That’s a job I can only dream of, being a part of the behind the scenes process to bring a story to life. Helping to polish it and make it shine brighter is just the icing on the cake for me. I just started editing professionally this year and I absolutely love being part of the process and working with other authors.
So from editing Weird Tales to “Classic Monsters Unleashed.” Tell me everything. Where did the idea come from? How did you originally become involved with the anthology? What are you most excited for with this release?
I had the idea to do a classic monsters anthology for many years. Last fall, I took a chance and contacted Joe Mynhardt, the publisher of Crystal Lake Publishing, and asked him if he was interested in doing an anthology. He said he wasn’t doing anthologies anymore because they were too expensive. I said I was a big fan of Kickstarter and maybe we could fund a book that way. I said I’d pitch him a few ideas and he agreed to take a look. But when I went through my list of anthology ideas, I decided I’d pitch him only one anthology, the classic monsters one. I sent him the pitch and a breakdown of the crowdfunding campaign, and he agreed to it, I think, in less than an hour. And he was back in the anthology business. And I was editing my first anthology.
Awesome, sounds simple but I know putting together an anthology has a lot of moving pieces. I know it's a labor of love from start to finish. I know I am really excited to see the final product. I have been following the posts for the anthology and there have been some really incredible pieces of art that have been posted. Do you have any favorite pieces that stand out so far? Tell us a little more about the artists and will we be seeing any more sneak peeks?
We have an amazing group of artists in the book. The cover is by Colton Worley, who has done all my Dead Jack covers. The cover was designed by Shawn T. King, who also has done all my Dead Jack covers. He’s also doing the interior design of the book, too. Colton has four interior illustrations, plus we have three pieces of art from Frank Frazetta, including my favorite of his work, “Creatures of the Night.” And there’s a Frankenstin portrait by Mister Sam Shearon, which is based on Mary Shelley’s description of the monster.
Actually, we should have new art to show soon. I have someone working on little monster icons that we’ll use for section breaks. So, look for that.
I look forward to seeing more of the artwork. I know there are still a few art prints on sale in the shop on the Classic Monsters Unleashed website. Readers can pick those up while they last. I plan to grab one. So any favorites in this collection and can you tell us why it /they stand out to you?
I won’t pick any favorites but I will highlight a few. Gene Flynn’s story, which we selected from the open submissions period, blew me away. It was the perfect tone and exactly what we were looking for. I can’t tell which monster it’s about, because it’s a bit of a surprise, but it’s a good one. Jonathan Maberry has a really cool Dr. Moreau story that acts as a sequel to the classic H.G. Wells story. Simon Bestwick wrote about a real mummy and will have you guessing what is fact and fiction in the story.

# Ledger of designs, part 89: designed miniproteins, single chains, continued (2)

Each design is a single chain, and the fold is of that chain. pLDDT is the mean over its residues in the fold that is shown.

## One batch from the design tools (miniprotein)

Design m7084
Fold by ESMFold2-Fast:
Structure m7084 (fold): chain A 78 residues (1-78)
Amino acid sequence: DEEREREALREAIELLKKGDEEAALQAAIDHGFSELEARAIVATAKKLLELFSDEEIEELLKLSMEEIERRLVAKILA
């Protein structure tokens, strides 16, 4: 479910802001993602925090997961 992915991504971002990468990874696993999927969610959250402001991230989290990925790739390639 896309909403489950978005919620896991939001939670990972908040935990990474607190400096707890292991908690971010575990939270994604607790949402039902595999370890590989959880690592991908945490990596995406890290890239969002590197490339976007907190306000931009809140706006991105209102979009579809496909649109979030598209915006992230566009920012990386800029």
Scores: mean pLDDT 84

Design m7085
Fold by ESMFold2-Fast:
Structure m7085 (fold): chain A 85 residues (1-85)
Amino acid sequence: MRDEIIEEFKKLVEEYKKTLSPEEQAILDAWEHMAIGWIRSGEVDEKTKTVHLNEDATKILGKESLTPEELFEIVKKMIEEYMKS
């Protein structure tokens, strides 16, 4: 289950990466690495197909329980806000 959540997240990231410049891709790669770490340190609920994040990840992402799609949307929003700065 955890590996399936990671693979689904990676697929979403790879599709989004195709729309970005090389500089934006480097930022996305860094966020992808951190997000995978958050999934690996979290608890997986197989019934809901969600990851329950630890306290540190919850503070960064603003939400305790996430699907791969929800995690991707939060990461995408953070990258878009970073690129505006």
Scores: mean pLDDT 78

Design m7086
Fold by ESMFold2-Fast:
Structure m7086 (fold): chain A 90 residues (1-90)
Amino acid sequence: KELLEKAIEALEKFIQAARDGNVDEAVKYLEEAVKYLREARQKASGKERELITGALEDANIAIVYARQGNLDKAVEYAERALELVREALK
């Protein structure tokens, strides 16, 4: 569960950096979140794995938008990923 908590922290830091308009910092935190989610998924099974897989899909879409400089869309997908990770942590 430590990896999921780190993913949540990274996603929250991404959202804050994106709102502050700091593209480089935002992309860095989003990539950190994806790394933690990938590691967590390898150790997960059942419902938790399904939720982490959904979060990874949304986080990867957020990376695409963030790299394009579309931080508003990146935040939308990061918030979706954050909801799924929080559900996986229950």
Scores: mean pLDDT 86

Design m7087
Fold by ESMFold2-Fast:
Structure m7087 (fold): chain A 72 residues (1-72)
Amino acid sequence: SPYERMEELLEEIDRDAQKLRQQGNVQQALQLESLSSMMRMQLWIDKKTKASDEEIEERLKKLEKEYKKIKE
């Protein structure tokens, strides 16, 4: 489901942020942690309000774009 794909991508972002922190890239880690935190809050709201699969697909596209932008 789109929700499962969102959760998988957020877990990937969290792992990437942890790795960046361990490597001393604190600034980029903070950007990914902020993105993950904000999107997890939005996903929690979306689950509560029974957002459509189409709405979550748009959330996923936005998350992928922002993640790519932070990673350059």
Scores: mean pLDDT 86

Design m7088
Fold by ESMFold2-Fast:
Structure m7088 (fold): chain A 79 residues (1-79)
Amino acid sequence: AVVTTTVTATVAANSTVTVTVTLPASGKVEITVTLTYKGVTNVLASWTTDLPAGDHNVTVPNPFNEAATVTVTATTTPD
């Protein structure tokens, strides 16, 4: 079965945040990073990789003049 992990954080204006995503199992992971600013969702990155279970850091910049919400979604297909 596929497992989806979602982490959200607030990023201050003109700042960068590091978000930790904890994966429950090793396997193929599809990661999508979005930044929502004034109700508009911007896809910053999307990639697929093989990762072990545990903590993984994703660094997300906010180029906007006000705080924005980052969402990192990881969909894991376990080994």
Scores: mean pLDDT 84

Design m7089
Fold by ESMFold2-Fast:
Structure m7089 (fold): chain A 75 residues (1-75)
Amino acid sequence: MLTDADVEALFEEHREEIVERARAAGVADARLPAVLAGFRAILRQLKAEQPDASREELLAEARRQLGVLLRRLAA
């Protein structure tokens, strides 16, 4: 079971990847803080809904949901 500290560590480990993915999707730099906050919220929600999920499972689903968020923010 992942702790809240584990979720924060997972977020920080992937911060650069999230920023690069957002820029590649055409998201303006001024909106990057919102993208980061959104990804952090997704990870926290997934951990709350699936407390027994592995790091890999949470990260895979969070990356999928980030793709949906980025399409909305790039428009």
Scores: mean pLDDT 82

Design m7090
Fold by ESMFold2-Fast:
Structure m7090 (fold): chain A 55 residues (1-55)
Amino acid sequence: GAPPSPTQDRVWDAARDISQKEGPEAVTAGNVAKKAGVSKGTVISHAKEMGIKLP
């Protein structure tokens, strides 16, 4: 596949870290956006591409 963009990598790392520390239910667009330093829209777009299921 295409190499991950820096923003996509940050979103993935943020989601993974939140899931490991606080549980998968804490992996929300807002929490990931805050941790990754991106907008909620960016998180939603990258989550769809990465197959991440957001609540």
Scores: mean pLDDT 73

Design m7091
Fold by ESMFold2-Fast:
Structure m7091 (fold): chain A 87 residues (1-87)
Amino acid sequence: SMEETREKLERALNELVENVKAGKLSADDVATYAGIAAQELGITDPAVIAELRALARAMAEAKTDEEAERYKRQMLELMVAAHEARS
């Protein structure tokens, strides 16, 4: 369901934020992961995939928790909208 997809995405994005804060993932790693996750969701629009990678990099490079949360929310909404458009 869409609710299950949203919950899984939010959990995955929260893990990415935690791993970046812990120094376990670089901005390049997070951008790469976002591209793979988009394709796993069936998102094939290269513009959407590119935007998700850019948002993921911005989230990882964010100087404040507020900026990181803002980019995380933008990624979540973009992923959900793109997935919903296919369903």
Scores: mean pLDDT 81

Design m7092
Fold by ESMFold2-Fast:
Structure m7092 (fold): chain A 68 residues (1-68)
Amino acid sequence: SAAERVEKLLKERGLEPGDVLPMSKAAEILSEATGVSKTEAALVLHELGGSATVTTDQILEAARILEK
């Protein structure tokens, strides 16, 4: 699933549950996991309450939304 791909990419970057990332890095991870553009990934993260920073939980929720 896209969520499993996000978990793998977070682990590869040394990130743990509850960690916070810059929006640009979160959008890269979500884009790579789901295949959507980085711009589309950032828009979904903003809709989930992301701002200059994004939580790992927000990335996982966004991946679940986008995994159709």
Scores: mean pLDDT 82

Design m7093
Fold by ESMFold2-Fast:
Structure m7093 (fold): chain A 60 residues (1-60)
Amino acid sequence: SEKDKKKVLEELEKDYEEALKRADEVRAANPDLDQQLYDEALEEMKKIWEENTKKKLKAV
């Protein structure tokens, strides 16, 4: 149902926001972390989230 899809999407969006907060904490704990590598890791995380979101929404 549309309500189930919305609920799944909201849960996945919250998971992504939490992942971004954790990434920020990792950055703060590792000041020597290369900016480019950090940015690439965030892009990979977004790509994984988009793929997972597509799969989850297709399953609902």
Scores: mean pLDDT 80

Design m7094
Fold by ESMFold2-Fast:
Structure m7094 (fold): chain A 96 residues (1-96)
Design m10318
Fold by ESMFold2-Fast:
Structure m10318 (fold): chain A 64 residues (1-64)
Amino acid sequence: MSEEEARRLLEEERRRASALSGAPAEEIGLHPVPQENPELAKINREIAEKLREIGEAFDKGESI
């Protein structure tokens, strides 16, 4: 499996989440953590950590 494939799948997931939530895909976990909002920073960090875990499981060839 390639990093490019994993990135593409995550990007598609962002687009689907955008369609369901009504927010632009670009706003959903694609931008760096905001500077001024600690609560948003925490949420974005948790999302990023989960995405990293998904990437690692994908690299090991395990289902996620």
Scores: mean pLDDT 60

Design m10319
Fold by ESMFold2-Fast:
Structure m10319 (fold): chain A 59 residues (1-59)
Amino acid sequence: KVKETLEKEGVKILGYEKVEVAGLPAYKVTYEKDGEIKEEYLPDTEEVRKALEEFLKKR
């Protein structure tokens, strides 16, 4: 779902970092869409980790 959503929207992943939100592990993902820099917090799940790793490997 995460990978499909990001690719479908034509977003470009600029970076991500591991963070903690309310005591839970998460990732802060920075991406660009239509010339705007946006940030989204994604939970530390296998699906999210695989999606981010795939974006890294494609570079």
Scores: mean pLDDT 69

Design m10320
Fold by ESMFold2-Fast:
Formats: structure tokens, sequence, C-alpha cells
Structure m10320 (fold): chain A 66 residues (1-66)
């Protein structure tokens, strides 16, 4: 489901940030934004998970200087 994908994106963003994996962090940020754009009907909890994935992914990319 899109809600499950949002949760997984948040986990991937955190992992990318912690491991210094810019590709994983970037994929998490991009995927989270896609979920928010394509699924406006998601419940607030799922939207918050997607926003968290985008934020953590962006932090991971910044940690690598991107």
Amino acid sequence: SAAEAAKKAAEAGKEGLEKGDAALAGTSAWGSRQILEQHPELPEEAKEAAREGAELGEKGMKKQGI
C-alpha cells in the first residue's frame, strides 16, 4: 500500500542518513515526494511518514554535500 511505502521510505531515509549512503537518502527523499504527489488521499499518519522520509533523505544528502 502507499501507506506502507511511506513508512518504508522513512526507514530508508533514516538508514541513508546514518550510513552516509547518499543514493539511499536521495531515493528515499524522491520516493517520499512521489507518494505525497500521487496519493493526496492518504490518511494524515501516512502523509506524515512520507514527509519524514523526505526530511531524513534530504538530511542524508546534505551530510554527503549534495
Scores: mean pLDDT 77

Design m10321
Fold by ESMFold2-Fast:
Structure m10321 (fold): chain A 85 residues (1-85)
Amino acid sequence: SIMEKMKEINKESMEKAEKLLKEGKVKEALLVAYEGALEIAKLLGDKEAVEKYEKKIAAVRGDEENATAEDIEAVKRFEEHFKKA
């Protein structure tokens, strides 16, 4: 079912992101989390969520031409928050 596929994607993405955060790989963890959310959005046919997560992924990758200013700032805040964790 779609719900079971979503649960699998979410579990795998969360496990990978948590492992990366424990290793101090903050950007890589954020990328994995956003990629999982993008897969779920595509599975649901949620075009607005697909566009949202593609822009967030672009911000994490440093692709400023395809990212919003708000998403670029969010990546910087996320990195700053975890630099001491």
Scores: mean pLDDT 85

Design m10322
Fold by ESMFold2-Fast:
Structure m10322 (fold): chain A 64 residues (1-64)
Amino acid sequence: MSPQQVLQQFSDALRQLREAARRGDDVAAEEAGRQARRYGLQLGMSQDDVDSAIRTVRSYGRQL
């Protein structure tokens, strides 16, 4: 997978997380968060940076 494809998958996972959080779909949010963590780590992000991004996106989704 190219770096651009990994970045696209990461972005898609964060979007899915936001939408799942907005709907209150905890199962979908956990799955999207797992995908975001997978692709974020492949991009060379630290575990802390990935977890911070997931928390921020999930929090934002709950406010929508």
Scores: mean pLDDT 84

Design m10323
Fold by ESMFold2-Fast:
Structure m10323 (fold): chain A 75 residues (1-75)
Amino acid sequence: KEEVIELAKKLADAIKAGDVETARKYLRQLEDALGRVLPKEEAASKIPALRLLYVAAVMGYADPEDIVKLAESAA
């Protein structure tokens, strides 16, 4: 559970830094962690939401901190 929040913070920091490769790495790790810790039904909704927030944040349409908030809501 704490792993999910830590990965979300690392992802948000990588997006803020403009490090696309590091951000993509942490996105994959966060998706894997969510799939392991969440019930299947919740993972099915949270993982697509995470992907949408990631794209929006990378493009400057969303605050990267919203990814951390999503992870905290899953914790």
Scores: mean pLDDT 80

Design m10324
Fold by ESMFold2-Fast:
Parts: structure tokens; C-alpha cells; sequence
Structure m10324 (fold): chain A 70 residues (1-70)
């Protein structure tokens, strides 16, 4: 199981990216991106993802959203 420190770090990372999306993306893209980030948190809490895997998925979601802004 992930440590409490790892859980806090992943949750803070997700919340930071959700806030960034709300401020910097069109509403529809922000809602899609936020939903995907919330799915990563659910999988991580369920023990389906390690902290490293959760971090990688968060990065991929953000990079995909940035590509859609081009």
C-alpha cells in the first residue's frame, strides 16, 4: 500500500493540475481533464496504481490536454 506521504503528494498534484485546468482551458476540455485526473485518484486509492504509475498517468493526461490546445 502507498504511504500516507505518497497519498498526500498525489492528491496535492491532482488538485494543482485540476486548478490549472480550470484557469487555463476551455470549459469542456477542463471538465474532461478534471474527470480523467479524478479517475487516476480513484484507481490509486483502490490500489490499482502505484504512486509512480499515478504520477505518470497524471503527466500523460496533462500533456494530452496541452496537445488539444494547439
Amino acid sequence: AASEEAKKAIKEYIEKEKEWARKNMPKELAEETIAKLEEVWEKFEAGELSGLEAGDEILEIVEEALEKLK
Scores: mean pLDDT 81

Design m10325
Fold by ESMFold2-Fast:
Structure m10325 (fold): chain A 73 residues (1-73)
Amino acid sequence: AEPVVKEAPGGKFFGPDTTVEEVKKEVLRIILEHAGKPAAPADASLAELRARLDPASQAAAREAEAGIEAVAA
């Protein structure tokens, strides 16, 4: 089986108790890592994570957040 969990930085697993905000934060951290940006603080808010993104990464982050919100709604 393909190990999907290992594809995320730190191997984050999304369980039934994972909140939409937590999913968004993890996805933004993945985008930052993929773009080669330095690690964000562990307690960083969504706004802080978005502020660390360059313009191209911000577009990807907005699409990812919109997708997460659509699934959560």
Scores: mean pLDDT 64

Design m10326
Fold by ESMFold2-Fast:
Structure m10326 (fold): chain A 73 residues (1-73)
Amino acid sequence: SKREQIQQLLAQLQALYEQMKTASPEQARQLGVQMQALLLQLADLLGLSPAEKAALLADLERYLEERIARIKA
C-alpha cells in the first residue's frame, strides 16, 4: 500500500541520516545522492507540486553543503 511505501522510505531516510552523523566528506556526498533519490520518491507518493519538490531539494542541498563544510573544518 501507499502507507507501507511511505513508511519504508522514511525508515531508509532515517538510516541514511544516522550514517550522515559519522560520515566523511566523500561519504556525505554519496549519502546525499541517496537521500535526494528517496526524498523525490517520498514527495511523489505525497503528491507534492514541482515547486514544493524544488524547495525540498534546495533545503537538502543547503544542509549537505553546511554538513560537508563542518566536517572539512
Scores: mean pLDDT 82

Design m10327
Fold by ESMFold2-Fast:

Tim Waggoner wrote a hard-hitting werewolf story. Owl Goingback did a story about Dracula in the Old West and it lives up to the story’s awesome premise. John Palisano’s Creature From the Black Lagoon inspired story also perfectly captures the anthology’s nostalgic tone while adding something new to the classic monster canon.
I’m also really excited about having Kim Newman write the intro. I can’t wait to read his essay.
Those all sound really great. I’m really looking forward to reading them. So do you have a favorite monster, classic or otherwise?
Jaws. No other monster has better theme music.
I know this turned into the highest-funded kickstarter for a horror anthology in the history of the Kickstarter platform. What was your reaction to that news?
That was unbelievable. When I was promoting the Kickstarter, I could see that people were getting very excited about it. Hundreds of people signed up for the email alert for the campaign launch so I figured we’d have a big first day, but when the pledges kept coming and coming, it was still a surprise. It was a crazy launch and it never really let up. And we’ll be doing it again next summer!
That’s impressive! I can’t imagine your excitement at seeing the numbers. I’ll be looking for your new campaign next summer for sure. Do you have a favorite thing about being in the Horror industry?
Every community has its bad apples, but the horror community has a lot of great people in it. The writers and artists are more close knit, I think, than other genres—maybe because it’s smaller and probably less-respected than sci-fi and fantasy among literary snobs.
I have found that sentiment to be true. The horror community is a really great community to be a part of. So nearing the end of our list here, what one piece of advice would you give to new authors?
The standard advice is to keep writing... it’s a process... don’t let the first drafts stop you. And that’s all true. I think one thing to keep in mind about a writing career is what you define as success. Is it just to be published, to make a living at it (which is very hard), win awards? You can drive yourself crazy chasing a career or accolades, when the only thing you can control is your writing. You may never make a living at writing fiction, or win an award, but that doesn’t mean you’re not successful.
That's a great piece of advice for any author out there. Know what your “why” is and remember it. Are there any other current projects that you would like to mention?